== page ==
You're probably familiar with pilots using terms like 'take-off' or 'landing', but there's other phrases they use in every flight you don't hear - and they're far from straight-forward.
Pilots often communicate by saying things like 'sausage sizzle' and 'I tawt I taw a puddy tat'.
It's not a joke - in fact, it's an important part of their job.
Before I get to some of the amusing, even naughty words and phrases used by pilots and air traffic controllers, I should explain what these phrases are used for.
Imagine the sky is made up of a complex road system, just like roads on the ground. Your flight may turn onto the 'road' headed for Los Angeles and along the way there are equivalent of intersections, round-a-bouts, off-ramps and on-ramps.
These junctions in the sky are called 'waypoints'. They're navigational points dotted on maps all around the world and are used by pilots to stay on-track, when to change direction and begin their decent.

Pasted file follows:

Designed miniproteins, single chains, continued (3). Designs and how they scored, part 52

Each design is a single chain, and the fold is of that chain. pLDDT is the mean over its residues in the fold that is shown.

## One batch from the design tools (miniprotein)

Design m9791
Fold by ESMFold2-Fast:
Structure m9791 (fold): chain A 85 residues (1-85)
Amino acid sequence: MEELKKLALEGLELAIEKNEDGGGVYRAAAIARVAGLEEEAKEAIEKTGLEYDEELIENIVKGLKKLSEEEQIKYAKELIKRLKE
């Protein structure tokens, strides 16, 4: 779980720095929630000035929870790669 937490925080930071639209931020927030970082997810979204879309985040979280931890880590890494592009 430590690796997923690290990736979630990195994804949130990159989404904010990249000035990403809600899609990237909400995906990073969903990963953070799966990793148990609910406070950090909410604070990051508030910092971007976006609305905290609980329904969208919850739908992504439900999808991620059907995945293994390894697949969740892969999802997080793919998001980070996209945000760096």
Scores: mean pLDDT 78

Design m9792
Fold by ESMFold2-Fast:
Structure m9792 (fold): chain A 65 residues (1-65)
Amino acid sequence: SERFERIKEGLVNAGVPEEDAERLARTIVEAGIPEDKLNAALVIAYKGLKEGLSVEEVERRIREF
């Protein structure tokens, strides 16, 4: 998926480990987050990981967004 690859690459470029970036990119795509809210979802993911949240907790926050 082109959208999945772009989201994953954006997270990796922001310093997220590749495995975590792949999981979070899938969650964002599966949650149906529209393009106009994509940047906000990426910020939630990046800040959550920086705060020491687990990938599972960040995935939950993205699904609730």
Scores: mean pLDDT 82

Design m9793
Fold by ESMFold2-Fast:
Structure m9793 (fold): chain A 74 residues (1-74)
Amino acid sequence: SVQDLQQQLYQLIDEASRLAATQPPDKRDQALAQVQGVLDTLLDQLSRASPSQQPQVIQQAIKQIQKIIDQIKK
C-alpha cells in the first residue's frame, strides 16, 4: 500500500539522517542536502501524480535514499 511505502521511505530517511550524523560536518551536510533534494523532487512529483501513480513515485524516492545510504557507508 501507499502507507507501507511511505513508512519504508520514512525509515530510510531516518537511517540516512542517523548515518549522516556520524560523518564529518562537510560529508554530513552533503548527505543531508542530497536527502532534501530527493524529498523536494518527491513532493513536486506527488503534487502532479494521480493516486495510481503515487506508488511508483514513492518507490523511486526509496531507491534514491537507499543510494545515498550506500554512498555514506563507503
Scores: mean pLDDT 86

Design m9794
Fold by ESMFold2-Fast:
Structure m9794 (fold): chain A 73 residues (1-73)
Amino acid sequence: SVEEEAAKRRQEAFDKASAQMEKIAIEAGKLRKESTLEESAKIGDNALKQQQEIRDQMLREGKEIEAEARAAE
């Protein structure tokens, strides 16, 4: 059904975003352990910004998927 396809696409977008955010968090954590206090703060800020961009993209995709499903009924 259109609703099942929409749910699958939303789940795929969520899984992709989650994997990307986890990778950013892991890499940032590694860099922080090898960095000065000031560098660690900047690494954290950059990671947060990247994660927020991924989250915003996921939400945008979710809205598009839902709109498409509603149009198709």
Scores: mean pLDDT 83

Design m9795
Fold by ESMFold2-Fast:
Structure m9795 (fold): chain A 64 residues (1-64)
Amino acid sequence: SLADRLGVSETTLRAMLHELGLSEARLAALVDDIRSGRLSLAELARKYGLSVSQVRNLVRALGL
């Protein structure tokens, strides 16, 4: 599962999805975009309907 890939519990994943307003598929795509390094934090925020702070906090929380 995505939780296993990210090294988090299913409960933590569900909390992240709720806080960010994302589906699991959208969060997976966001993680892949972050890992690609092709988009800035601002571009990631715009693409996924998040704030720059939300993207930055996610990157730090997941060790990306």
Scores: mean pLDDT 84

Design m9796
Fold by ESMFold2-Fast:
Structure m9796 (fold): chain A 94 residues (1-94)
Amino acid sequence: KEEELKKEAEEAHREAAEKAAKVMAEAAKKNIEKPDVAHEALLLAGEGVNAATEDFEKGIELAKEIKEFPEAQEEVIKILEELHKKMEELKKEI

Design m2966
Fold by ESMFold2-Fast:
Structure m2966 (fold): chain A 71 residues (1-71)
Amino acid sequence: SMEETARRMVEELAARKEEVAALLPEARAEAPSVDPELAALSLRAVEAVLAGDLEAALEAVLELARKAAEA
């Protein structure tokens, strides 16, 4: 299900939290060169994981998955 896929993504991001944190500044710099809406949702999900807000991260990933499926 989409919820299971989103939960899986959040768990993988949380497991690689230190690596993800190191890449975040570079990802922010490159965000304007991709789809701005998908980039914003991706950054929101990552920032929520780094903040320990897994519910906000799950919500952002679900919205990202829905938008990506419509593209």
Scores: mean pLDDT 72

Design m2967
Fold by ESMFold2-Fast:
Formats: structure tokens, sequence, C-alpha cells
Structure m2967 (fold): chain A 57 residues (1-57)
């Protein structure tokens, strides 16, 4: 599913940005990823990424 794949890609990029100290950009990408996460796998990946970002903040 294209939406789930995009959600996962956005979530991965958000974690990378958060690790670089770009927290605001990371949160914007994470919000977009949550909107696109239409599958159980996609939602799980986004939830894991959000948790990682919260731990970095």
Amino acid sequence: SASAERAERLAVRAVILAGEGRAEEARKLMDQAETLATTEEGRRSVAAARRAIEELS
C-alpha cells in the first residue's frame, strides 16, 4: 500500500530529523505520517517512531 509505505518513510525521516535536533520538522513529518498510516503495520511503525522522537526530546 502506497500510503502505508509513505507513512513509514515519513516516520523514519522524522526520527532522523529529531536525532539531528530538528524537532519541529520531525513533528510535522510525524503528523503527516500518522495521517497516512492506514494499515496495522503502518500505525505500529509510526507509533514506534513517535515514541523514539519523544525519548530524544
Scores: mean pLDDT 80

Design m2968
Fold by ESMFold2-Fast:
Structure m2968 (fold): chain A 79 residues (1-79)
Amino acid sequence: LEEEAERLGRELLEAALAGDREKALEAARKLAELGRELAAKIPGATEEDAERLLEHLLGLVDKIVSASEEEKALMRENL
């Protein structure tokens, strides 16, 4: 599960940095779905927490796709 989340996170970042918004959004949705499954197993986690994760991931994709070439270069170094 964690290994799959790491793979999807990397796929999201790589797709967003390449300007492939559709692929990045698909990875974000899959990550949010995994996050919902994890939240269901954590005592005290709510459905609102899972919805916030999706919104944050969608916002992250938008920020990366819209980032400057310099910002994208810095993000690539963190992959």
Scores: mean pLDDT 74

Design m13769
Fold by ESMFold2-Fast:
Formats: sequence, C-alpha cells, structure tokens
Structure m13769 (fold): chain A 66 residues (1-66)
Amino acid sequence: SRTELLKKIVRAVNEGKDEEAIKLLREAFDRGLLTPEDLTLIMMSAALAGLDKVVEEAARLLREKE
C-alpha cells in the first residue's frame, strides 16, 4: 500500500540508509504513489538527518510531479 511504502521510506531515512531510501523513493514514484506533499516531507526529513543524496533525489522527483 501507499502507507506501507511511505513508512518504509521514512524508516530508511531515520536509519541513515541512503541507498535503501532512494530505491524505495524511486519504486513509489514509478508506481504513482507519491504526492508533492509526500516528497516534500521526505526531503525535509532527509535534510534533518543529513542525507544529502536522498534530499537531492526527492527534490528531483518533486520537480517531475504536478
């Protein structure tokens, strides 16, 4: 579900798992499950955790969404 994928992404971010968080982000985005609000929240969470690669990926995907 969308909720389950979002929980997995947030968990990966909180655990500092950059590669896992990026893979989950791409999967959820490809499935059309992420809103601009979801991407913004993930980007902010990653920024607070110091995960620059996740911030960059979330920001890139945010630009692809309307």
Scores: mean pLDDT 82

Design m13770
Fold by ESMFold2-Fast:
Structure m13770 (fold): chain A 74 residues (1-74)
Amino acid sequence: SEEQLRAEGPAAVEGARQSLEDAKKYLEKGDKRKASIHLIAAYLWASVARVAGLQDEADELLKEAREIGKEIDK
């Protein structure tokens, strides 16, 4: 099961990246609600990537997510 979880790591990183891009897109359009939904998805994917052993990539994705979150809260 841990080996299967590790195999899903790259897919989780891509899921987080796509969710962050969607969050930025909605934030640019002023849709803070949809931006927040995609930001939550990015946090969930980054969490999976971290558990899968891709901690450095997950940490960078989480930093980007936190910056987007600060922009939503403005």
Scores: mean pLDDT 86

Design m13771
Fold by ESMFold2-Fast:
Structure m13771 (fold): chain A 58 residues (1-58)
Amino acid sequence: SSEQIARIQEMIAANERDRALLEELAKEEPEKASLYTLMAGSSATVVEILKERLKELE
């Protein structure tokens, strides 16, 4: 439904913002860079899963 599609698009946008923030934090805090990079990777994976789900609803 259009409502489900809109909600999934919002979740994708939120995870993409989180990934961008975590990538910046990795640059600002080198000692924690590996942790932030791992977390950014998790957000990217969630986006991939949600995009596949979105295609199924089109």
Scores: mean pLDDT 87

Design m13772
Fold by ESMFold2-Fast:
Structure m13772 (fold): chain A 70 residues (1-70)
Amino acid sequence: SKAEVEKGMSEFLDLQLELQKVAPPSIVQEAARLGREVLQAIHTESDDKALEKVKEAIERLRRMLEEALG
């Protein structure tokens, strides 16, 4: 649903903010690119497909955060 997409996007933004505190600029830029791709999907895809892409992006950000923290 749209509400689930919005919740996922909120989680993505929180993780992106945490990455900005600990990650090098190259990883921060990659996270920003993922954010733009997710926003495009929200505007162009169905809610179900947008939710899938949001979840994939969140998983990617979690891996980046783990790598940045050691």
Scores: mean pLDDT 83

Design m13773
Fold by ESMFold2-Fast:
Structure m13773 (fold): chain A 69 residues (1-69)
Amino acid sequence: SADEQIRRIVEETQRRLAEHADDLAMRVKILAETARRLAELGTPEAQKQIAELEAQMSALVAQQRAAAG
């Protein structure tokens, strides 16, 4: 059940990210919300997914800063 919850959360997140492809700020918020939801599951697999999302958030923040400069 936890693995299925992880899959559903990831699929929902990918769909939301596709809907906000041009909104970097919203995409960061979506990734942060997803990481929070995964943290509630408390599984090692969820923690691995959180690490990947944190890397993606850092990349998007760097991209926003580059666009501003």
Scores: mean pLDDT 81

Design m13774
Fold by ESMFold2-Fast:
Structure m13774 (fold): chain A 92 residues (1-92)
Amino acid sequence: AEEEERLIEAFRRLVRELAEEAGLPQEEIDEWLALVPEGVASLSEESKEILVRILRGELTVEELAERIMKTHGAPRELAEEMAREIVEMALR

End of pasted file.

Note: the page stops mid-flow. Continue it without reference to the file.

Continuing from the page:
Every waypoint is made up of five letters, so things don't get too complicated when being communicated long distances via radio.
This is where the fun begins, and it started a while ago when these waypoints first started to be named.
Flying into Sydney, aircraft may navigate through a sausage sizzle - two waypoints, one after the other, named SOSIJ and SIZZL.
The Aussie aviation controllers have had some real fun when naming some of their naviation points.
There's GALAH, KIMMI, and in Western Australia there's a series poking fun at our rugby rivalry - "Who will win the William Webb Ellis trophy? (WHOOL WINDA WILAM WEBB ELLIS TROFE)."
At Pease Air Force base in New Hampshire, descending pilots quote one of the most heard phrases in children's television, "I tawt I saw a puddy tat (ITAWT ITAWA PUDYE TTATT)."
Andrew's Air Force base in Maryland uses more presidential names - DUBYA, BUUSH, FORRD and RREGN. Oddly, that list doesn't feature any Democatic presdients...
More humourous sky waypoint names:
There's SPICY, BARBQ, RIBBS in Kansas.
In Vermont, there's HAMM, BURGR and FRYYS.
Whoever authorised the waypoint ARSOL (in Morocco) is probably in-line for an ASKIK (in Germany).
New Zealand has some too. There's JONAH in the Cook Strait and MULET near Nelson.
Do you know of any others? Comment in our Facebook Group.